Canada: A Novel Cause Of Action Coming Down The Track And Other Railway Legislation Changes

Late last month, the federal government introduced Bill C-52, which, if enacted, will amend both the Canada Transportation Act (CTA) and the Railway Safety Act (RSA). The federal government also proposed new Railway Safety Management System Regulations (New SMS Regulations) under the RSA, which are intended to replace the existing SMS Regulations and expected to come into force on April 1, 2015.

Once implemented, the changes introduced through Bill C-52 and the New SMS Regulations (collectively referred to as Recommended Changes) will significantly alter the requirements imposed on federally regulated railway companies as well as non-federally regulated railway companies operating on federal railway tracks involved in the transport of dangerous goods, including oil. This article summarizes many of the Recommended Changes, including the introduction of a novel statutory cause of action against federally regulated railway companies based on loss of use of a public resource.


Financial Changes

The most significant changes set out in Bill C-52 appear to be primarily financial in nature. For example, once enacted, the provisions of Bill C-52 will require federally regulated railways that move large quantities of dangerous goods (including oil) to carry minimum amounts of insurance ranging from C$25 million to C$1 billion depending on the quantities of goods that are transported annually. Furthermore, in the event of an accident involving crude oil, federally regulated railway companies will be liable for damages up to the amount of their minimum insurance limits without proof of fault or negligence (subject to limited defences such as accidents caused by civil war or insurrection). Finally, the provisions of Bill C-52 will also result in the imposition of an additional levy of C$1.65/tonne of crude oil shipped. The amount will subsequently be adjusted annually based on the consumer price index.

Novel Cause of Action

In addition to the above changes, Bill C-52 also introduces (in section 153.2 of the CTA), what appears to be a novel statutory cause of action based on loss of use of a public resource (Public Resource Claim). More specifically, either the federal or provincial governments will be able to initiate a Public Resource Claim against a railway company involved in an accident involving crude oil or any other good designated under the regulations, up to the minimum amounts of insurance for "loss of non-use value relating to a public resource that is affected by the railway accident or as a result of any action or measures taken in relation to the accident."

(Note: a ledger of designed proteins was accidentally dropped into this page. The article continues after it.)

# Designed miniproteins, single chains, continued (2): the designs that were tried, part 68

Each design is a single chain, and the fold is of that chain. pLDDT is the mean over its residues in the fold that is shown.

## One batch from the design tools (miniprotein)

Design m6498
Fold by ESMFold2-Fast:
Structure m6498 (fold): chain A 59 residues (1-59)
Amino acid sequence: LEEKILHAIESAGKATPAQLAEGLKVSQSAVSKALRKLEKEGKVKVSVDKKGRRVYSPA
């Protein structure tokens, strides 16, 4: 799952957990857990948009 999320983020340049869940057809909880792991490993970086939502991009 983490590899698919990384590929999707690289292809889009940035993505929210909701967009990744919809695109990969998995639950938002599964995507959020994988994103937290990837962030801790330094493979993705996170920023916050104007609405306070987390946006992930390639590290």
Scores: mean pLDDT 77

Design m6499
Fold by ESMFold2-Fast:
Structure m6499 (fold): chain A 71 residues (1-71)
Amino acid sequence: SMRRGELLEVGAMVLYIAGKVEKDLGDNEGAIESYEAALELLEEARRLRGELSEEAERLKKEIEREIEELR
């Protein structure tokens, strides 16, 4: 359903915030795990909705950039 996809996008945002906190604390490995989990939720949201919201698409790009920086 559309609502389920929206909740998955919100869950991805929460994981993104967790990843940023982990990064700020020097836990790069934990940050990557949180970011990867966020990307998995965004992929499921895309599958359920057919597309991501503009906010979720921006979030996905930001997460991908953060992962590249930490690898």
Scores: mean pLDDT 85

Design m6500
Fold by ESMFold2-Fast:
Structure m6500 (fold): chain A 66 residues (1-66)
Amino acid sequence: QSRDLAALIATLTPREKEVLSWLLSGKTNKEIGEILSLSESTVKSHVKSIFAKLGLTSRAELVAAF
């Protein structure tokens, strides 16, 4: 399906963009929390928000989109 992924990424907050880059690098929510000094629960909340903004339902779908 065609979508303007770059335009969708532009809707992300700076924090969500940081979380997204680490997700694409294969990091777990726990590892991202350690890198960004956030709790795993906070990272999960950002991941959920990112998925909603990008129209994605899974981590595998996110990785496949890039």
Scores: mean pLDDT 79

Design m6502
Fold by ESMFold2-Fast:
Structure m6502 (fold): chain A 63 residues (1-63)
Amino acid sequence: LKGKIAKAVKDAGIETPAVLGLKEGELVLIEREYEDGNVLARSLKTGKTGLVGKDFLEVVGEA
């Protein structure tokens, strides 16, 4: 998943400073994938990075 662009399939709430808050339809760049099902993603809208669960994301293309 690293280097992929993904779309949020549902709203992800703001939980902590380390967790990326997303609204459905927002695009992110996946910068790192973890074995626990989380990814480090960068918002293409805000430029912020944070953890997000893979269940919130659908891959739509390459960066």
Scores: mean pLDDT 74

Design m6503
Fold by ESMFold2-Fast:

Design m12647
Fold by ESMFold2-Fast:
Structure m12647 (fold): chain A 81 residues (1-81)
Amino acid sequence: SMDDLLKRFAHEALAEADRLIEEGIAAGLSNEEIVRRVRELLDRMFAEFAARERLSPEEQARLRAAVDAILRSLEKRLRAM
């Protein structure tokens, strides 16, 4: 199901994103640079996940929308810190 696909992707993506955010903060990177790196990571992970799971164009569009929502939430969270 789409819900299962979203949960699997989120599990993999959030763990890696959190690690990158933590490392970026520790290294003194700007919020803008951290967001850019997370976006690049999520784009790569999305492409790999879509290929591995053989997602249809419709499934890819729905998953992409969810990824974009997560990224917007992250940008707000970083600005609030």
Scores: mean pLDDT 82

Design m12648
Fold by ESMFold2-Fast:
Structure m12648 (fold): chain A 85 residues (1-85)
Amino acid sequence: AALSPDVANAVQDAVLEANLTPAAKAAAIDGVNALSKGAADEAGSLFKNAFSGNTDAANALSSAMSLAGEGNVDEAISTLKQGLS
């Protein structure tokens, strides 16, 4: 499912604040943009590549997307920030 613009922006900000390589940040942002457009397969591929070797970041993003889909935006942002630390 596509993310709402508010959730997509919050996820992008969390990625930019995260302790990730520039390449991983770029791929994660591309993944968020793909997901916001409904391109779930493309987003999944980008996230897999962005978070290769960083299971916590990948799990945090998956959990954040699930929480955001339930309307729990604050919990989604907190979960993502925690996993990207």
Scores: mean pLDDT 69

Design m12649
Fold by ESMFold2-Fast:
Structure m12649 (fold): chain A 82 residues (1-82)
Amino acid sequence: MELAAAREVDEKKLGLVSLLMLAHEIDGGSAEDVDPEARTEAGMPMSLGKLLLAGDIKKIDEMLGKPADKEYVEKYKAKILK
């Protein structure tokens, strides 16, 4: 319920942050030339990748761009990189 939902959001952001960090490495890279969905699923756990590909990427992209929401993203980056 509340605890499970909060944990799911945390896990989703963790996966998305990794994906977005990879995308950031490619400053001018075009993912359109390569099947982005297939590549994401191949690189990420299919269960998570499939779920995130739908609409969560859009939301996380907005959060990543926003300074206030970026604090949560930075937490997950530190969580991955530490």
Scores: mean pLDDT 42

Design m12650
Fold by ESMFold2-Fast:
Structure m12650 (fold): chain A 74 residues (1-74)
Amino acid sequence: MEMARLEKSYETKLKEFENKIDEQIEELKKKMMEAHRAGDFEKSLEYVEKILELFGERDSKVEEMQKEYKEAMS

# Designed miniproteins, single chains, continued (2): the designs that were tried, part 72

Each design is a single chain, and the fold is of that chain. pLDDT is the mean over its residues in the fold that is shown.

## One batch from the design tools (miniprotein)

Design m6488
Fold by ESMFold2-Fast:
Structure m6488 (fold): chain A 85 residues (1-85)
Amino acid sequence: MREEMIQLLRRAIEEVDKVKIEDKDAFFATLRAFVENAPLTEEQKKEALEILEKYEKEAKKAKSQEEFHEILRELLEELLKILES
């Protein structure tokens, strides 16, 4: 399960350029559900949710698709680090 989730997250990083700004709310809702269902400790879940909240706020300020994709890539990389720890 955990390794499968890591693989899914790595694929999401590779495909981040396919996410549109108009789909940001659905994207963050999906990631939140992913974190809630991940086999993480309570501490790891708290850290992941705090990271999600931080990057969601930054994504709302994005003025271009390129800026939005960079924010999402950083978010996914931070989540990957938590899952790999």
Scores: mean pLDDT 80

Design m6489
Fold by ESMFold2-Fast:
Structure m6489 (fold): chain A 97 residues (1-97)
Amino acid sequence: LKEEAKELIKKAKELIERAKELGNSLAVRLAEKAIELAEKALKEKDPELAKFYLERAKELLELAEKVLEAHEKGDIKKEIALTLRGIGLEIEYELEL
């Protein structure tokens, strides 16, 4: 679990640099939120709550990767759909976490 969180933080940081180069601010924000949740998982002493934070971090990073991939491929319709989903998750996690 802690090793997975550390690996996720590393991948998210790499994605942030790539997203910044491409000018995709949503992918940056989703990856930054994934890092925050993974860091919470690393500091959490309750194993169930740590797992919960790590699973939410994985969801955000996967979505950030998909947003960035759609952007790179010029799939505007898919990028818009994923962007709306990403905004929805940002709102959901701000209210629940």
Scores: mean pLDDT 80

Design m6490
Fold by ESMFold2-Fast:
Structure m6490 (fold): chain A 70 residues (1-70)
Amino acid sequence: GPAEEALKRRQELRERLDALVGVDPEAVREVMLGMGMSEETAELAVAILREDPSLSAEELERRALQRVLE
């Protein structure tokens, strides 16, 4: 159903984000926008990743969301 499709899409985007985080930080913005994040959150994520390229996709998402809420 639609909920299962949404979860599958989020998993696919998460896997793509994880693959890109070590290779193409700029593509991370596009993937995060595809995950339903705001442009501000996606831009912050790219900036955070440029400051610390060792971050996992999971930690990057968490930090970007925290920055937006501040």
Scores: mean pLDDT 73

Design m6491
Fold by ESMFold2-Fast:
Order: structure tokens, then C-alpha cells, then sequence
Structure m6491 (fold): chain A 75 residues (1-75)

Although the concept of loss of use value and non-use value presently exists in several federal statutes (notably the Canada National Parks Act and the Canadian Environmental Protection Act, 1999), and is proposed for introduction in several other statutes (notably the Canada Wildlife Act and the Migratory Birds Convention Act, 1994), it appears to be otherwise restricted to sentencing considerations. In other words, the loss of use value and non-use value resulting from an incident is a factor to be taken into consideration in determining an appropriate sentence for a person found guilty of violating a statutory provision. Its application in the sentencing context is very different from the Public Resource Claim under the CTA, which would actually form the basis of a statutory claim for damages that the government could make against a railway company.

The basis of a Public Resource Claim under the CTA also appears to be different from what exists in the United States where some statutes incorporate the concept of natural resource damage. However, the concept appears to be predicated more on recovering the costs of remediating the environment rather than the loss of use of a public resource.

Claiming for loss of non-use value relating to a public resource in a Public Resource Claim is an interesting cause of action that presumably arises out of the Supreme Court of Canada's decision in British Columbia v. Canadian Forest Products Ltd. In that decision, the court held open the possibility of the government suing for compensation on behalf of the public for environmental damages. Indeed, the Public Resource Claim under the CTA appears to have taken the concept one step further by actually incorporating the concept as a statutory cause of action.